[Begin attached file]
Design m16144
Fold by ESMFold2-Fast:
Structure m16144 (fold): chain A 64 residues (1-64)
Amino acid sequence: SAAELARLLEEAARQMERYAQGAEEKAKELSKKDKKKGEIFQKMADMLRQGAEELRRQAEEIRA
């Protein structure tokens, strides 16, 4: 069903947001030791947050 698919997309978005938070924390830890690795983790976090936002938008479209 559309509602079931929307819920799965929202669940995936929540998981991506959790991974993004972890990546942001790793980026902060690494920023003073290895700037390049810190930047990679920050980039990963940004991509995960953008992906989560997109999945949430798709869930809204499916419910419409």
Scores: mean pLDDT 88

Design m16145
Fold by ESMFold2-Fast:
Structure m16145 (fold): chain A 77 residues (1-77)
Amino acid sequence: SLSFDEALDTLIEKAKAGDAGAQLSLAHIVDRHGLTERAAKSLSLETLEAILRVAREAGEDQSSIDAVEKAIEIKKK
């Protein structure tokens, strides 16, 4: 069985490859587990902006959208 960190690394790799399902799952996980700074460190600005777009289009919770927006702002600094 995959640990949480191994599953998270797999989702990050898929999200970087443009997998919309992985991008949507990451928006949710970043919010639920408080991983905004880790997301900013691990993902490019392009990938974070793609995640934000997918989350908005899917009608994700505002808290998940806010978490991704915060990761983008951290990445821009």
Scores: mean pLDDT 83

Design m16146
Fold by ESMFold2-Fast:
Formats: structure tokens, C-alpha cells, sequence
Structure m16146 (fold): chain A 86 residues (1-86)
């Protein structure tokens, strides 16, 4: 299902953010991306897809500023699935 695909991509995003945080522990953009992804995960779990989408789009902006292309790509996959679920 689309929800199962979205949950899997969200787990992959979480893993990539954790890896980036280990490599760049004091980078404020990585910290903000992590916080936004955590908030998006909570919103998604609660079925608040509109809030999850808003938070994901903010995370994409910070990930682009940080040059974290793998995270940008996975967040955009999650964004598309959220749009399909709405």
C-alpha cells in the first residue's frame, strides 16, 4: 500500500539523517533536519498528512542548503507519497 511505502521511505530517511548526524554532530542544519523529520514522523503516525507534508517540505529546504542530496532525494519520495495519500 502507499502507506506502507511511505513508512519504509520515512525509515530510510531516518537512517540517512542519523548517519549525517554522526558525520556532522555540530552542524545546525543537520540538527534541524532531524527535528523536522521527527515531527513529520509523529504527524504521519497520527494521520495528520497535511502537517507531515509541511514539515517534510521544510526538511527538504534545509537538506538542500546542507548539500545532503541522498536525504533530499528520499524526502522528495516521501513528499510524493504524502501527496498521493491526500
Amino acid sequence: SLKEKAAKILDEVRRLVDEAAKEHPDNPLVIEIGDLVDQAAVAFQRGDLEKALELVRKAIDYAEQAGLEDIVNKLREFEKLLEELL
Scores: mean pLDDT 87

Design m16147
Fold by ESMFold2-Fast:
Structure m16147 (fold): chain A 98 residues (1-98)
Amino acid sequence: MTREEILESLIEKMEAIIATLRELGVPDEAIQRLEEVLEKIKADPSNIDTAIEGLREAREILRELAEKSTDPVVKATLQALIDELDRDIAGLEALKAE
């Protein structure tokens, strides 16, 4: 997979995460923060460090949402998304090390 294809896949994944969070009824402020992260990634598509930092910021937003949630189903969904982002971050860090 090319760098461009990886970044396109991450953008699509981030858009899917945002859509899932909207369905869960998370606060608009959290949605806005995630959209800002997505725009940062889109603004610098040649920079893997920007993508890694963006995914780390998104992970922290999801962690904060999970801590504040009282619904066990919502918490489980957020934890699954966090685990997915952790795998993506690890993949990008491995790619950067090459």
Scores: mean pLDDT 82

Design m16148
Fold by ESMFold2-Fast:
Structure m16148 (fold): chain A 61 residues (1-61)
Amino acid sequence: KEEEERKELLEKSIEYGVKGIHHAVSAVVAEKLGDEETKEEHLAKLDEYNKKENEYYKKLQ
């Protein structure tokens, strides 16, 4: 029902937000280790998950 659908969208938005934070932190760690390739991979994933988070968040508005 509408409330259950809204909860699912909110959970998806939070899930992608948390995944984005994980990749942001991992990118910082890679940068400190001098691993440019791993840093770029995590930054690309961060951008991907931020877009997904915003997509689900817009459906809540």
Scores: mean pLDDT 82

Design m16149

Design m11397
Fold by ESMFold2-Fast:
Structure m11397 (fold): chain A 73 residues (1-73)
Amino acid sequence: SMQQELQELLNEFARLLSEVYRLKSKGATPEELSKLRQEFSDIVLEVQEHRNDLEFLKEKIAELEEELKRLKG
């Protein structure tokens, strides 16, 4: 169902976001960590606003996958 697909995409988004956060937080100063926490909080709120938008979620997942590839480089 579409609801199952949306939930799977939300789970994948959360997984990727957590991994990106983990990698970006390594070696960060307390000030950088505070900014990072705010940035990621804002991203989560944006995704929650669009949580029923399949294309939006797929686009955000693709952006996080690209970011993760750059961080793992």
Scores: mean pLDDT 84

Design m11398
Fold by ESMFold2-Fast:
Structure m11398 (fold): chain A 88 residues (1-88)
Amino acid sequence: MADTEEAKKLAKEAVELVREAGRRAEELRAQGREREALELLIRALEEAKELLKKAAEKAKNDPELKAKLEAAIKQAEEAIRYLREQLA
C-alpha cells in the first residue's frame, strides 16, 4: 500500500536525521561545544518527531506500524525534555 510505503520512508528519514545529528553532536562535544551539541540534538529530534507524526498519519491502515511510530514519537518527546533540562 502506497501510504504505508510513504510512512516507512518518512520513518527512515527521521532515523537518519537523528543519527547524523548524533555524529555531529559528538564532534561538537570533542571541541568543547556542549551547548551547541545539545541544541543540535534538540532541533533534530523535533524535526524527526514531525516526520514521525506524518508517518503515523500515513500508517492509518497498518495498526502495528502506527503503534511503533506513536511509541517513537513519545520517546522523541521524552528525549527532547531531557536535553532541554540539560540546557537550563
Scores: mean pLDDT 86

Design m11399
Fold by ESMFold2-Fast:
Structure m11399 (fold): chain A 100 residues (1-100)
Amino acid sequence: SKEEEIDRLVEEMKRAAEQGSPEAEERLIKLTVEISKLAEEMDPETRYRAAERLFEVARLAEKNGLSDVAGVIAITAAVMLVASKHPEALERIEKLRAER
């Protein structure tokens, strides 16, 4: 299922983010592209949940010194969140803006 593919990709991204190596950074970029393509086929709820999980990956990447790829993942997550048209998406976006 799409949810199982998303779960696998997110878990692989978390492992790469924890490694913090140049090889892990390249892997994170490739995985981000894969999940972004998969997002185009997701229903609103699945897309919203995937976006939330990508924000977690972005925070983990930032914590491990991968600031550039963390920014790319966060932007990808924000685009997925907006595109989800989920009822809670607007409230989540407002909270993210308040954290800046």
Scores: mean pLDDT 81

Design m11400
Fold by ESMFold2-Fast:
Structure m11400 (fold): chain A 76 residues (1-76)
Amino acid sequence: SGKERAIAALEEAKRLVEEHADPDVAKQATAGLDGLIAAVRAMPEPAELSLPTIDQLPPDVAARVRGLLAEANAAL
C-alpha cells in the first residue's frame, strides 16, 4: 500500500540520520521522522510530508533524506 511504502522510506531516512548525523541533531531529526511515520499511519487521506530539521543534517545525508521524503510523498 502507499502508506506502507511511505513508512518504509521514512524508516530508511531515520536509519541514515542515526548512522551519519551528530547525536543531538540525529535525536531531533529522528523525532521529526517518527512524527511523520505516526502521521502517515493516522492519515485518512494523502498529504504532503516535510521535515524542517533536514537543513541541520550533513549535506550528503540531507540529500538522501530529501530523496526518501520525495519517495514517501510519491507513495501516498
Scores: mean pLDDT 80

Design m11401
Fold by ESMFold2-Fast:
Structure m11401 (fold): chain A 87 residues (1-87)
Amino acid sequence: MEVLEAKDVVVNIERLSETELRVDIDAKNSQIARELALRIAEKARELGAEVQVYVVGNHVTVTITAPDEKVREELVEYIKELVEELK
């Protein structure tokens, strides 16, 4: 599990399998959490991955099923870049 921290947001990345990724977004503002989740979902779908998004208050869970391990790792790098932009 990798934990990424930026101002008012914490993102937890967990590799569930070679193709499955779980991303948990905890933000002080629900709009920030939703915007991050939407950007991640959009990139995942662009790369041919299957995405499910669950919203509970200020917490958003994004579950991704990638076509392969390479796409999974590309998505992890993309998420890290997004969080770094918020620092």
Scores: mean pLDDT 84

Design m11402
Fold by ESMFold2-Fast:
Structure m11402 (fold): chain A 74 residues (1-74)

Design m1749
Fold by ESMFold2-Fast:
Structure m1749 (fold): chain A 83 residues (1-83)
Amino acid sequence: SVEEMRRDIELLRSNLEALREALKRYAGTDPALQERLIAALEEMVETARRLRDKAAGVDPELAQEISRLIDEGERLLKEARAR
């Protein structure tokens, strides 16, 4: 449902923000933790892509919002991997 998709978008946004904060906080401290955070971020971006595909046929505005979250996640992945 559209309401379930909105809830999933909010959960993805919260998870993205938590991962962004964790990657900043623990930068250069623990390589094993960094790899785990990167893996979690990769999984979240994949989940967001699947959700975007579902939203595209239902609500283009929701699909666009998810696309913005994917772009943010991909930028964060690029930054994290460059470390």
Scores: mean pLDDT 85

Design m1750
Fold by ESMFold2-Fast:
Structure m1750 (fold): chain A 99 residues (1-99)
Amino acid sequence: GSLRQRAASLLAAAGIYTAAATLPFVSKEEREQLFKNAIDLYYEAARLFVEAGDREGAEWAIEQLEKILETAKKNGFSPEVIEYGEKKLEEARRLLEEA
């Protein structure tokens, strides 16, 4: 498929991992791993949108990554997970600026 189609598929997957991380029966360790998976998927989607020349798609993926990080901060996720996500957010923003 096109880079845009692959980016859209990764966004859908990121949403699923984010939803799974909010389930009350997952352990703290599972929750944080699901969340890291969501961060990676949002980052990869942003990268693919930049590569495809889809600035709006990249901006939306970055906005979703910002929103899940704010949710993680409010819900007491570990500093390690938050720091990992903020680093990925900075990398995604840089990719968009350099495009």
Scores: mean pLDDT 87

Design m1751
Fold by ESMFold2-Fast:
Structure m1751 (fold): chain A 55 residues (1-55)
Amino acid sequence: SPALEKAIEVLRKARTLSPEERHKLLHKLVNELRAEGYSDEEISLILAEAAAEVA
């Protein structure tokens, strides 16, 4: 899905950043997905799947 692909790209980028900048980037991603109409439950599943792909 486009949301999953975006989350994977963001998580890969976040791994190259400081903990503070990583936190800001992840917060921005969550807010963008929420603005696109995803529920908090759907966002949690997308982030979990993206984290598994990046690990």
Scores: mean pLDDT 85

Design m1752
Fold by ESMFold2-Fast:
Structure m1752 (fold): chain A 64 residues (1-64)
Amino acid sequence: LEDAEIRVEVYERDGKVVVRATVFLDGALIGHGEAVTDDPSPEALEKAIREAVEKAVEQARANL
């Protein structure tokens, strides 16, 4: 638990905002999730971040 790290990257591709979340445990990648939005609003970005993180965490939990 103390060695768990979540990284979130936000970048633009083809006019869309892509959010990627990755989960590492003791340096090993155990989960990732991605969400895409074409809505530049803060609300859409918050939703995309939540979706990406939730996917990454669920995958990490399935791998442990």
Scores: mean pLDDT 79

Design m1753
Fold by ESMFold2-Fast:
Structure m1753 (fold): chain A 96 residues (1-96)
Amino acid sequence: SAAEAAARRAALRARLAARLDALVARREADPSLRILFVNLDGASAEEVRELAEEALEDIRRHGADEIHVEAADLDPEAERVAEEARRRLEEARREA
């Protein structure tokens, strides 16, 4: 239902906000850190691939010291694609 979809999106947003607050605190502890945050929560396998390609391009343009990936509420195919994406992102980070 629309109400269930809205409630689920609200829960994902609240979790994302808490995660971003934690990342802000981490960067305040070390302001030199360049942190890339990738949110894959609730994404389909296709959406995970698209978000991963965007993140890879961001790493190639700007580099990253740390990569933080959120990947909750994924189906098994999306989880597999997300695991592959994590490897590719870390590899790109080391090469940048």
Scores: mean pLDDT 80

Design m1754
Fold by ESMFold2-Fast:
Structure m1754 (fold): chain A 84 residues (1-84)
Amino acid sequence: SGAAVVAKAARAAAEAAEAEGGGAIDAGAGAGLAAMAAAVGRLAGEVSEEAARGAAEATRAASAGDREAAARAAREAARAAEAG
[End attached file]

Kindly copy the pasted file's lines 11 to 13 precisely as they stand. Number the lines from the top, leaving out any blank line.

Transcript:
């Protein structure tokens, strides 16, 4: 069985490859587990902006959208 960190690394790799399902799952996980700074460190600005777009289009919770927006702002600094 995959640990949480191994599953998270797999989702990050898929999200970087443009997998919309992985991008949507990451928006949710970043919010639920408080991983905004880790997301900013691990993902490019392009990938974070793609995640934000997918989350908005899917009608994700505002808290998940806010978490991704915060990761983008951290990445821009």
Scores: mean pLDDT 83

Design m16146